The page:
In 2009, 40.6 percent of single-parent families with children in North Carolina lived in poverty, while only 7.2 percent of married couples with children were poor. Seventy-two percent of black children in North Carolina are born to single mothers, compared to 26.5 percent of white children. The best weapon against black child poverty in North Carolina is strong black marriages.
The issues UNC law professor Gene Nichol raises around criminal justice reform “What is the N.C. Republican Party’s agenda on race?” (June 30) are very complicated, and I cannot do them full justice in this short response. But it is worth pointing out that a third of the murderers who have used The Racial Justice Act to challenge the death penalty were white. Because the law is so ambiguously written, white men, convicted by white juries, have been able to log-jam the justice system by arguing that they were victims of discrimination, based on minute differences between themselves and their jurors. So clearly the “systemic racial subordination” Nichol feels Republicans promote is a little more complicated than he is letting on.
Republicans gained control of both houses of the North Carolina legislature in 2010 for the first time since 1896. Would Nichol really have us believe that life for blacks in North Carolina was a blissful paradise before the “evil” Republicans began oppressing them? Or perhaps he feels we would be better off back in the hands of the party that subjected us to Jim Crow? Democrats have long been professionals at rehearsing grievances and acting like they care. The black residents of North Carolina don’t need the pity of academics. They need policy changes that will strengthen black marriages and families, encourage economic growth and allow them to choose the schools their children attend.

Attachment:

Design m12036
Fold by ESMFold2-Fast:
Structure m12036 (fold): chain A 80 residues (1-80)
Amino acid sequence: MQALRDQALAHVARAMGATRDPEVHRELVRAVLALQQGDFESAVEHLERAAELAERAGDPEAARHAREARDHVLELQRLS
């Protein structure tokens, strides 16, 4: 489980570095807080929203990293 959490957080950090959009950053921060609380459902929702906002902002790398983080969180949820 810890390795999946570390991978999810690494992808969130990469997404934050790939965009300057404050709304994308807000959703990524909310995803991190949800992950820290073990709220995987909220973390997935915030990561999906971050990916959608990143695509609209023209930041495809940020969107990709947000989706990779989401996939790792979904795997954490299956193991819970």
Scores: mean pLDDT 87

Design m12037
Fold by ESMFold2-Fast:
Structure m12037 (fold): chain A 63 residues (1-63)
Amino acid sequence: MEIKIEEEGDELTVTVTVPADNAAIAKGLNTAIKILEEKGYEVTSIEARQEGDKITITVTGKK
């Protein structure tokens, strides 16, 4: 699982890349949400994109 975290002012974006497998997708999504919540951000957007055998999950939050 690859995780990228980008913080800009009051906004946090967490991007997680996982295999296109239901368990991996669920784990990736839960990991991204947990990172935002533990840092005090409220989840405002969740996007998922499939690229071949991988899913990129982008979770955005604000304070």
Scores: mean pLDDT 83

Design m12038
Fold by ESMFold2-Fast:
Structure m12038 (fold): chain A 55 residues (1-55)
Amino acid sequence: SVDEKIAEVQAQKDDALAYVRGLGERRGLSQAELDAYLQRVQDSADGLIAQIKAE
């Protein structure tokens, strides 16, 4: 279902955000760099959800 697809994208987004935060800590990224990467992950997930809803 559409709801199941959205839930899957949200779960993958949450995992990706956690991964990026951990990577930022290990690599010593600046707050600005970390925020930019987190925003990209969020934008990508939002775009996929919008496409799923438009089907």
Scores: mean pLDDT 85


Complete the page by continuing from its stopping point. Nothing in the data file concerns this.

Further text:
President, The Frederick Douglass Foundation of NC
Stop seismic testing
I am grateful for “Be heard on seismic testing in the Atlantic” (July 6) and how it asked people to speak up for public comments. My friends, family and I have responded to the call, emailing the National Marine Fisheries Service before the July 21 deadline.
This issue will surely continue to be debated fervently in North Carolina if it moves forward. Blasting the ocean floors several times a minute at levels around 250 decibels for months would create an uninhabitable environment for sea creatures including turtles, dolphins, whales and lesser-known species that are vital to the ocean ecosystem. Also, we are already awash with natural gas from hydraulic fracturing, and everyone needs to wean off all fossil fuels as soon as possible to avoid more severe overheating of the Earth and especially the potent methane leaks from fracking.